Archive for February, 2012

Malaria is one of the major tropical parasitic diseases responsible for significant morbidity and mortality especially among children and pregnant women. Malaria is caused by a single celled protozoan parasites called Plasmodium and transmitted to man thought the anopheles mosquito. It is one of the major fatal diseases in the world, especially in the tropics and is endemic in some 102 countries with more than half of the world population at risk. Malaria accounts for 310 – 515 million clinical episodes with 1.5 – 3.0 million deaths per year, 90% of which occur in sub-Saharan Africa. Malaria is the world’s most devastating disease. An estimated 2 billion people are exposed to the global endemic among which 500 million are affected by this disease yearly and 1 – 2 million people die yearly as a result of malaria.

Malaria epidemiology in Bangladesh:
Malaria is a major health burden in the south-eastern part of Bangladesh, especially in the Chittagong Hill Tracts. In Bangladesh, malaria is most likely a seasonal disease and concentrated in border regions. Thirteen districts in the north, north-east and south-east regions are highly malaria endemic. These are Khagrachhari, Rangamati, Bandarban, Cox’s Bazar, Chittagong, Sylhet, Sunamganj, Moulvibazar, Hobiganj, Mymensingh, Netrakona, Sherpur and Kurigram. About 98% of the malaria cases are reported from these districts. The ecological situation of all these districts favours transmission of the disease. Three districts namely Khagrachhari, Rangamati and Bandarban located in hilly remote areas of Chittagong Hill Tracts suffer from geographical disadvantage with difficult communication and intense perennial transmissions of malaria (BHP 2008). Currently the number of malaria endemic upazilas is 70 and the total population at risk is 10.9 million. The average malaria prevalence in Khagrachari district was 15.47% (n = 750). Table 1 lists the individual prevalence of malaria for the thanas in Khagrachari. The highest prevalence was found in Dighinala (22%) and lowest prevalence was found in Panchari (5.72%). The overall malaria prevalence in Chittagong Hill Tracts (CHT) districts was 11.7%. The prevalence rate was 15.25%, 10.97% and 7.42% in Khagrachari, Bandarban and Rangamati districts respectively.

the following link help you to understand the Pathogenesis of Malaria

Malaria – Life Cycle of Plasmodium

Local name of malaria in Bangladesh:
In the Bangali and Chakma communities they used to call it as Kala ajar because some people opined that the malaria patient became short of hearing, few other people opined that the skin of malaria patient turned black. In both the communities, people used to call it Hati jar to refer to malaria because of its mammoth harmfulness. In terms of duration and physical harm and costs, the Bangali community used to call it as Moron jar or Pocha jar because of its long duration and incurability. In Chakma community people regard it as Bhanga jar because of the rapid emaciation of the body. In Tripura community they have a single name for it the Miaung Kulung based on its symptoms.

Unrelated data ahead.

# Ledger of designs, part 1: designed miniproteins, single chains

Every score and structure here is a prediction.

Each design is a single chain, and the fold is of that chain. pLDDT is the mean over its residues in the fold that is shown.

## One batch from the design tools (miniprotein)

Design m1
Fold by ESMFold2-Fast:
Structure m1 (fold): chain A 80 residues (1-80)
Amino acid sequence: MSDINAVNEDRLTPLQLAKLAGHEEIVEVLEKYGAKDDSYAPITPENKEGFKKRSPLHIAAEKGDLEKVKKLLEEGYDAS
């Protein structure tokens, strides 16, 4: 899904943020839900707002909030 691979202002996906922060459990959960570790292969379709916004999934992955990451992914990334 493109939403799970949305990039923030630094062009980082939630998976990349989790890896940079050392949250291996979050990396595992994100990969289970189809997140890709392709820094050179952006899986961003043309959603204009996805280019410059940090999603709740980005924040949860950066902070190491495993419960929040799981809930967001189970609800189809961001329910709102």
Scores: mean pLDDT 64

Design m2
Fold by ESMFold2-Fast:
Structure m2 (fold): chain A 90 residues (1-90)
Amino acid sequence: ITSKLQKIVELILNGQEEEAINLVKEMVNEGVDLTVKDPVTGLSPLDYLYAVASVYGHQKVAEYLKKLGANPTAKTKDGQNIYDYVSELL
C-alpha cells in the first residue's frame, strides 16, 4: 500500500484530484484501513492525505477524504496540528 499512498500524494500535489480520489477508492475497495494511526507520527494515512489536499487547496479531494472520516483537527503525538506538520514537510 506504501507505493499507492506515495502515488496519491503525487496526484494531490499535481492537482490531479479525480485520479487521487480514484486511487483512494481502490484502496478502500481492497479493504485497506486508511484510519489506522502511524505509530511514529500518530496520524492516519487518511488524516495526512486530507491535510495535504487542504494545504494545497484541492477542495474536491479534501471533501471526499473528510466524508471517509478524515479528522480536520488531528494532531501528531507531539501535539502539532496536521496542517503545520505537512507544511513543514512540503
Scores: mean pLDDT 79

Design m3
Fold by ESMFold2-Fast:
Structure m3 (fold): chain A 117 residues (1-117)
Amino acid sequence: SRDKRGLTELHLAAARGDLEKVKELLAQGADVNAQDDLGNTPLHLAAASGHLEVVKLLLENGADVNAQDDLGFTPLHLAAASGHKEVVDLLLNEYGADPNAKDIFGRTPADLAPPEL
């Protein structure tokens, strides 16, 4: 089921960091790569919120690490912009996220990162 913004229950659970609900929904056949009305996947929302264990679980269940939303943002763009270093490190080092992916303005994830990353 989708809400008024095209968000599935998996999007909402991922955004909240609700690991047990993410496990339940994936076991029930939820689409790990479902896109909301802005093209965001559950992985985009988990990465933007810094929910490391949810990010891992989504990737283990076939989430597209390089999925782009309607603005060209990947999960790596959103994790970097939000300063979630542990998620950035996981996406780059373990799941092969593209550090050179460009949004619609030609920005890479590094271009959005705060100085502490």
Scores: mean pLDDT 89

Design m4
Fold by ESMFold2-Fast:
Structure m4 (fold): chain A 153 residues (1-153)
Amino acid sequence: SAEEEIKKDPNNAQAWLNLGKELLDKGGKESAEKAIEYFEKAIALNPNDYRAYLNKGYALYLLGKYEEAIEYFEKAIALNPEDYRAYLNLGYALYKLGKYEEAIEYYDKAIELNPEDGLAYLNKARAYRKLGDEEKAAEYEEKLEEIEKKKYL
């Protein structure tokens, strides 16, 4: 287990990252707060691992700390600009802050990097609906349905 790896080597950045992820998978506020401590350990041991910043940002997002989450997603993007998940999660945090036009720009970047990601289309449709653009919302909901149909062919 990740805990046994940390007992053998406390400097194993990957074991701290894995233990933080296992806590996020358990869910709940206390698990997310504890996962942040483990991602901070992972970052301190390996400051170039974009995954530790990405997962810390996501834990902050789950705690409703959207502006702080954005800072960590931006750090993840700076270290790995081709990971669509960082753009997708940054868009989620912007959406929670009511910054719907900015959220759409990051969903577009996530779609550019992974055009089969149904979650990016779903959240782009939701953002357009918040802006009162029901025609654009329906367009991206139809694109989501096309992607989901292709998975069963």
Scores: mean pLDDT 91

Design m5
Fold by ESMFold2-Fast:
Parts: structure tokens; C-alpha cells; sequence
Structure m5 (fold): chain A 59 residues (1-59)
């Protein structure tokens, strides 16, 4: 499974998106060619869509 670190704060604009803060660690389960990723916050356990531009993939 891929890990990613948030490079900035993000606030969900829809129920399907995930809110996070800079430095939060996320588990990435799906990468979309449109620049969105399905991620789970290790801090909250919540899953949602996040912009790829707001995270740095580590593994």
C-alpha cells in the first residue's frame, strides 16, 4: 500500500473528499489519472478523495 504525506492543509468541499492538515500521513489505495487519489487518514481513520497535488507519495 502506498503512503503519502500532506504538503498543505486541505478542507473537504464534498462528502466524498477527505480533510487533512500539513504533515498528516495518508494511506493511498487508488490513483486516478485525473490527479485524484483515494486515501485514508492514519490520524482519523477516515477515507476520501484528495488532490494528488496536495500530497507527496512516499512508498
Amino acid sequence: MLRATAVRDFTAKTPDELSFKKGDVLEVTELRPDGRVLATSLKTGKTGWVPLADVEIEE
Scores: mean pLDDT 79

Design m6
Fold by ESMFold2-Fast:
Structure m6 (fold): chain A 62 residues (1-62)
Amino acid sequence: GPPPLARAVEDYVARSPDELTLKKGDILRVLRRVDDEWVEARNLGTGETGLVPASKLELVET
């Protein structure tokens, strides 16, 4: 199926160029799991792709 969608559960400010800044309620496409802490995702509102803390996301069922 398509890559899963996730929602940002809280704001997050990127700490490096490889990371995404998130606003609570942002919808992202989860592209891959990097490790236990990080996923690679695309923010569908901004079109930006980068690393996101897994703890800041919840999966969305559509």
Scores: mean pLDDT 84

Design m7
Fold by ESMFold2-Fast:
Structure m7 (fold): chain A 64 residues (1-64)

Medicinal Plants against Malaria Treatment:
The antimalarial drug, quinine, whose use has been documented almost 400 years ago, was isolated from the bark of the Cinchona tree, which also contains three other antimalarial compounds, namely, quinidine, cinchonine, and cinchonidine. A common antimalarial drug in use today is chloroquine, a synthetic derivative of quinine. The latest antimalarial drug is artemisinin, which is derived from the plant Artemisia annua L. (Asteraceae), and has been used in Chinese traditional medicine for more than 1,000 years for treatment of malaria. Artemisinin derived antimalarial drugs like artesunate and artelinic acid reportedly caused embryo death and malformations in pregnant rats by killing embryonic erythroblasts. Some findings indicate that P. falciparumstrains may be developing resistant varieties to artemisinin in China. Studies have documented over 1,200 plant species from 160 families used in the treatment of malarial or fever. Ethnobotanical survey is an important step in the identification, selection and development of the therapeutic agents from medicinal plants. In ethnobotany and natural products chemistry, the mode of preparation and administration of herbal preparations are often crucial variables in determining efficacy in pharmacological evaluation.